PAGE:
The Independent Voice of Southern Methodist University Since 1915

The Daily Campus

The Daily Campus

The Independent Voice of Southern Methodist University Since 1915

The Daily Campus

The Independent Voice of Southern Methodist University Since 1915

The Daily Campus


Five years on: What have we learned?

It has been five years since 19 Islamic terrorists fundamentally changed our understanding of the world and our place in it. Since then we have undertaken two wars, crushed some of our enemies, spawned new ones, alienated allies and generally polarized the world.

The past five years have seen a radical shift in the geopolitical landscape of the world that has not been seen since the fall of the Soviet Union, and is arguably more important and fundamental. The fall of the Evil Empire brought an end to a structured and somewhat predictable enemy; Sept. 11 marked the beginning of an almost existential threat so ideologically poisonous, unpredictable, and different that combating it has been a process of trial and error.

The errors have been of unprecedented magnitude and we have failed to learn from many of the trials. The world, but especially America, should take into consideration two areas: the specific errors, such as the aftermath of the initial war in Iraq and Afghanistan, and the wider implications and underpinnings of the new structure of the world situation.

High on the list of particulars, the United States has learned that toppling a tyrannical regime is not equivalent to winning the war or, more infamously, accomplishing the mission. How to solve this is being learned the hard way day by bloody day. Poor planning, almost criminal execution and delusional optimism have been the hallmarks of this administration’s hard-power foreign policy.

Donald Rumsfeld typifies this stubborn approach towards the quagmires of Iraq and Afghanistan. Though some improvements are being made, albeit very slowly, proper planning and execution, including more boots on the ground and strict oversight and training, as well as a realistic dialogue and admission of mistakes would have prevented much of the criticism that is leveled at America.

America has suffered more than just a blow to its pride, however. As important as learning tactical lessons from hard-power mistakes, this administration needs to realize and admit that its actions have created a rallying call and spawning point for more jihadists worldwide. The United States was justified in militarily responding to such tyrannies as the Taliban and, arguably, Saddam Hussein; any sort of military response would have, admittedly, given the jihadists something to rally around. However, the actions that have been taken have not just rallied terrorists but have inspired the creation of more of them.

America has been espousing the highest ideals and pursuing the spread of democracy across the world, but instances such as Abu Ghraib put the lie to all of the efforts to fight extremism. It is still baffling that in a war for hearts and minds those who stand for freedom, democracy, and tolerance are losing to radicals who represent repression, fear and unremitting violence.

Even worse is the global situation brought about since that fateful day. Of course, some of it is not the direct fault of America; even the world’s superpower does not have that kind of global influence. It does all, however, link back in one way or another to the actions taken by the United States. Some situations are improving, thankfully, and some lessons have been taken to heart, while others continue to be ignored. The United States gave the brush-off to the United Nations over Iraq and suffered the diplomatic consequences. Condemnation of unilateralism came from nearly every quarter, especially from our European NATO allies and even from countries such as China and Russia.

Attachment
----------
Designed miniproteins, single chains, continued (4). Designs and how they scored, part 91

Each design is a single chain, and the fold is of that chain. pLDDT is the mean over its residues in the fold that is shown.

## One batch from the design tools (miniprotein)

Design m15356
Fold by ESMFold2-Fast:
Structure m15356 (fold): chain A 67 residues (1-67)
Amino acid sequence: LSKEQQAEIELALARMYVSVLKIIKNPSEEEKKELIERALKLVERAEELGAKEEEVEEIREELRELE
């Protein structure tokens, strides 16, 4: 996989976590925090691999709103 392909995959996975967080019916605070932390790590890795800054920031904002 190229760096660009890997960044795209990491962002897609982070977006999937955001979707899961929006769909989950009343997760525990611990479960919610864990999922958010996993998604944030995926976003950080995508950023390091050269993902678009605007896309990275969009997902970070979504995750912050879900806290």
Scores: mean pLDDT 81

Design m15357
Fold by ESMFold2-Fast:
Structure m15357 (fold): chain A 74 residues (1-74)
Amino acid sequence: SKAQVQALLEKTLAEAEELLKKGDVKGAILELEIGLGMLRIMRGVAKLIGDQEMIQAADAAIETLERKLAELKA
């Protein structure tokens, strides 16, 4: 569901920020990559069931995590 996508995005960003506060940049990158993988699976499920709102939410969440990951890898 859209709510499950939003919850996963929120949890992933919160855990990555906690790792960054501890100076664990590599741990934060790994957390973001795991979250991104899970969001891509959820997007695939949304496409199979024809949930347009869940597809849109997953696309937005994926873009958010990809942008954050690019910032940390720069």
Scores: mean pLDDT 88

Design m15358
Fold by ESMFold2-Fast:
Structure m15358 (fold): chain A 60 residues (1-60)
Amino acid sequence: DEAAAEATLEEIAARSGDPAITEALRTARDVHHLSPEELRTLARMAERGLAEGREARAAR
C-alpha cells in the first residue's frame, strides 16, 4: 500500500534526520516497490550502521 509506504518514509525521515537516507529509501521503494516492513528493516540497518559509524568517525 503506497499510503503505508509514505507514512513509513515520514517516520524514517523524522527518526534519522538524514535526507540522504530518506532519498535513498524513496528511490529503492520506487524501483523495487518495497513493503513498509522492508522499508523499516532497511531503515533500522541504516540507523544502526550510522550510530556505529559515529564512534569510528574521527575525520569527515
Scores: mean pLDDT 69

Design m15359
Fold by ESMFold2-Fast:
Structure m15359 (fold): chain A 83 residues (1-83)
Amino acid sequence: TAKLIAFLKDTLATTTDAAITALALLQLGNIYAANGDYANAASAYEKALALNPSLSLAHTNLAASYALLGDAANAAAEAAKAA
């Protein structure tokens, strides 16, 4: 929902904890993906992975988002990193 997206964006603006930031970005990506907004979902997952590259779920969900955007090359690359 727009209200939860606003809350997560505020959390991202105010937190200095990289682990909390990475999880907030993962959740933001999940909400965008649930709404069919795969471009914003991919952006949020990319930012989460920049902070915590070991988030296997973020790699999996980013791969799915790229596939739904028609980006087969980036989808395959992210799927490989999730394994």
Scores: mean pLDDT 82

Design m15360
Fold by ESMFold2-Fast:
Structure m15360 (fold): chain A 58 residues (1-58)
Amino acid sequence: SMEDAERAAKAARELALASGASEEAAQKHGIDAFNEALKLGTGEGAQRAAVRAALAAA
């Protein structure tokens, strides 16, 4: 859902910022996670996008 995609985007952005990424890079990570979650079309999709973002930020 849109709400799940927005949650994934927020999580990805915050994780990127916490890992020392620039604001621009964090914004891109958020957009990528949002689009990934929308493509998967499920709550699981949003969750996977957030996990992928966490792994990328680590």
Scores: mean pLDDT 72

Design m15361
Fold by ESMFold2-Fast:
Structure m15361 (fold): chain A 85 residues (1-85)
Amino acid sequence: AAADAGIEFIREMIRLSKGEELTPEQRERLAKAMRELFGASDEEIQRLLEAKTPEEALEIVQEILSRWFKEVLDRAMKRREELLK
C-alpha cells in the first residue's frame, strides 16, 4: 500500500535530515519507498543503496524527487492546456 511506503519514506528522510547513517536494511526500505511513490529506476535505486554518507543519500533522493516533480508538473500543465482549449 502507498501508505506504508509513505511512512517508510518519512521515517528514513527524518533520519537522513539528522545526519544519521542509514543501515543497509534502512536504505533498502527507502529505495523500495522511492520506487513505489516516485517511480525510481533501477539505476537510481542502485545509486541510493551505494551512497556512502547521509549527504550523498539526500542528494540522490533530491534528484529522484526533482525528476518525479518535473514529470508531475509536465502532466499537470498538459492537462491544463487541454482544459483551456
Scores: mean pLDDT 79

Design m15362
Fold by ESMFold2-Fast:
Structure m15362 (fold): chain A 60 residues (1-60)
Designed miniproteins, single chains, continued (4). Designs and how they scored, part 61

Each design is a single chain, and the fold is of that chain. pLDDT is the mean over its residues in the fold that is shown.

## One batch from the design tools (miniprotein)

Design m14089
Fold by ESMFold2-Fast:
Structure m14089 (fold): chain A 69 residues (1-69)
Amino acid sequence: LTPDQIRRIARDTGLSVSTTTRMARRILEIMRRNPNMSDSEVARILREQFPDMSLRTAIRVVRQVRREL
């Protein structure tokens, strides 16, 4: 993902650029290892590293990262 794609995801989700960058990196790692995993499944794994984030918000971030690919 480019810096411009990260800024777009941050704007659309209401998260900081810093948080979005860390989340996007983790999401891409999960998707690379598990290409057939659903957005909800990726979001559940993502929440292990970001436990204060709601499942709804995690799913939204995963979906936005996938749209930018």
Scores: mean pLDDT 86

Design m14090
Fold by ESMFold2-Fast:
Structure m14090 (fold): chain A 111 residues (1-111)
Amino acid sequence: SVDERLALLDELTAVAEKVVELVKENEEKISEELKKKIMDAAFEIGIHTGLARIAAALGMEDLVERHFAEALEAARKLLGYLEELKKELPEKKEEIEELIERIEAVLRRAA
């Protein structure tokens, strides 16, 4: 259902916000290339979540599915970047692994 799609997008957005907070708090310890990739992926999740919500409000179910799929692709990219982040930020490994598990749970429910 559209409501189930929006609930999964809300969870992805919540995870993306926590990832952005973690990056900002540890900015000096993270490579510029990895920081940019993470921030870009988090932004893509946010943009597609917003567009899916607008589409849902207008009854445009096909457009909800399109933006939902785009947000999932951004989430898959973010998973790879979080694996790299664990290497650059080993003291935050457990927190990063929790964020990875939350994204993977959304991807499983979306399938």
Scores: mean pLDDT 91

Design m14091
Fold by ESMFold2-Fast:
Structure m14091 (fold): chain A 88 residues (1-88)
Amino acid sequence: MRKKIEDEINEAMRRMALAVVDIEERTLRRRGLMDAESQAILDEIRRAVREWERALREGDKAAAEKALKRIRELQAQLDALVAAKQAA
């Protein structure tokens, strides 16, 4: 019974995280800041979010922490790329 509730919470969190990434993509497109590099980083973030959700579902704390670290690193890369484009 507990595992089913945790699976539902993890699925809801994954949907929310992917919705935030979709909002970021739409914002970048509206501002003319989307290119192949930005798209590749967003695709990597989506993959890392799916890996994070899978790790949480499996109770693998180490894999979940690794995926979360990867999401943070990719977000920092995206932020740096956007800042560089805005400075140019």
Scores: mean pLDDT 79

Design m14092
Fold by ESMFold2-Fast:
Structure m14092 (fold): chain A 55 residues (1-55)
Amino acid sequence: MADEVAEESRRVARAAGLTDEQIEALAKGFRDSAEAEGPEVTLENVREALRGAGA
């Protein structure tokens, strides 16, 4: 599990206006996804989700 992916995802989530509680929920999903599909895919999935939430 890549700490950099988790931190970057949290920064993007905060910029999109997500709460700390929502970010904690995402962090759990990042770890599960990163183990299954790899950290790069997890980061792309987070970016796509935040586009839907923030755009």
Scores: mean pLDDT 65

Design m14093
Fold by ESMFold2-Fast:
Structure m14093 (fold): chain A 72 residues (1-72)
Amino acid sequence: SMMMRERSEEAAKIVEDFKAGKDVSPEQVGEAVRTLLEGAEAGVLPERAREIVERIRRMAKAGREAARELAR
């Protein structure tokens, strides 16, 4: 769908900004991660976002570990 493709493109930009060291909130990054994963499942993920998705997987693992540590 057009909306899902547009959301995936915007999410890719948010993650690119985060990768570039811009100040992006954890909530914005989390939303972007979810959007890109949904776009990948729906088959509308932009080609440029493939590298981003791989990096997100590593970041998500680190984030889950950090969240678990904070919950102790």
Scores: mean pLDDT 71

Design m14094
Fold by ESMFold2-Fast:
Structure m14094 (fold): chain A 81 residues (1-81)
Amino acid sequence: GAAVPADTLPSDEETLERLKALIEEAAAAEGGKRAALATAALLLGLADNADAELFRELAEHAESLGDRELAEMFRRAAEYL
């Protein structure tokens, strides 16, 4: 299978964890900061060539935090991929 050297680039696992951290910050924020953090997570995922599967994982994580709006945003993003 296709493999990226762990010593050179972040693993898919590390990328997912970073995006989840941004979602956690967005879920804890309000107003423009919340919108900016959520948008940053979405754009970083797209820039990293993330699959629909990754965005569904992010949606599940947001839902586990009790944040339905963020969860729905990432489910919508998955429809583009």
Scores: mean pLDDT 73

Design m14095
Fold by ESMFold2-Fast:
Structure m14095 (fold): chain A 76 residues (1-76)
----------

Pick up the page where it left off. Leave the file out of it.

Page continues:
The rebuke was taken to heart; the United States now walks diplomatic lockstep with partners in talks with Iran, North Korea and other international pariahs. Still, the so-called “Bush Doctrine” of pre-emptive strikes remains a key and controversial component of U.S. foreign policy. There are problems on the horizon, too. The dominance and prominence of Iran threatens regional stability; its reckless nuclear policies and unabashed state sponsorship of terrorist organizations such as Hezbollah, combined with its new-found oil wealth and ego boost from the war in Lebanon, make it the most pressing international hot spot and one that should be addressed immediately.

Fundamental problems remain unresolved. The most paramount of these is the issue of Israel and Palestine. The perceived subjugation of the Palestinian people and aggression of Israel continue to be the loudest clarion call for world jihad. It is right that the United States continue to support Israel, within reason, but because of this link we will continue to be a target of terrorists. If the issue of a Palestinian state is resolved, jihadists will lose their most persuasive and enduring recruiting tool.

Ultimately the only way to secure peace is to end the cycle of tit-for-tat violence and subjugation. It has been proven empirically that the best way to do this is open compromise and free-market economic development. Until then, ignorance will breed ignorance and unemployed, hopeless and disaffected youths will turn to radical ideologies to find a role in society. There is a reason why terrorism and tyranny occur in the poorest areas around the globe.

Now is the time for a national and international reflection and debate; otherwise, we’re doomed to repeat the mistakes of our past.


About the writer:

John is a first-year accounting, international studies and Chinese triple major. He can be reached at [email protected].

More to Discover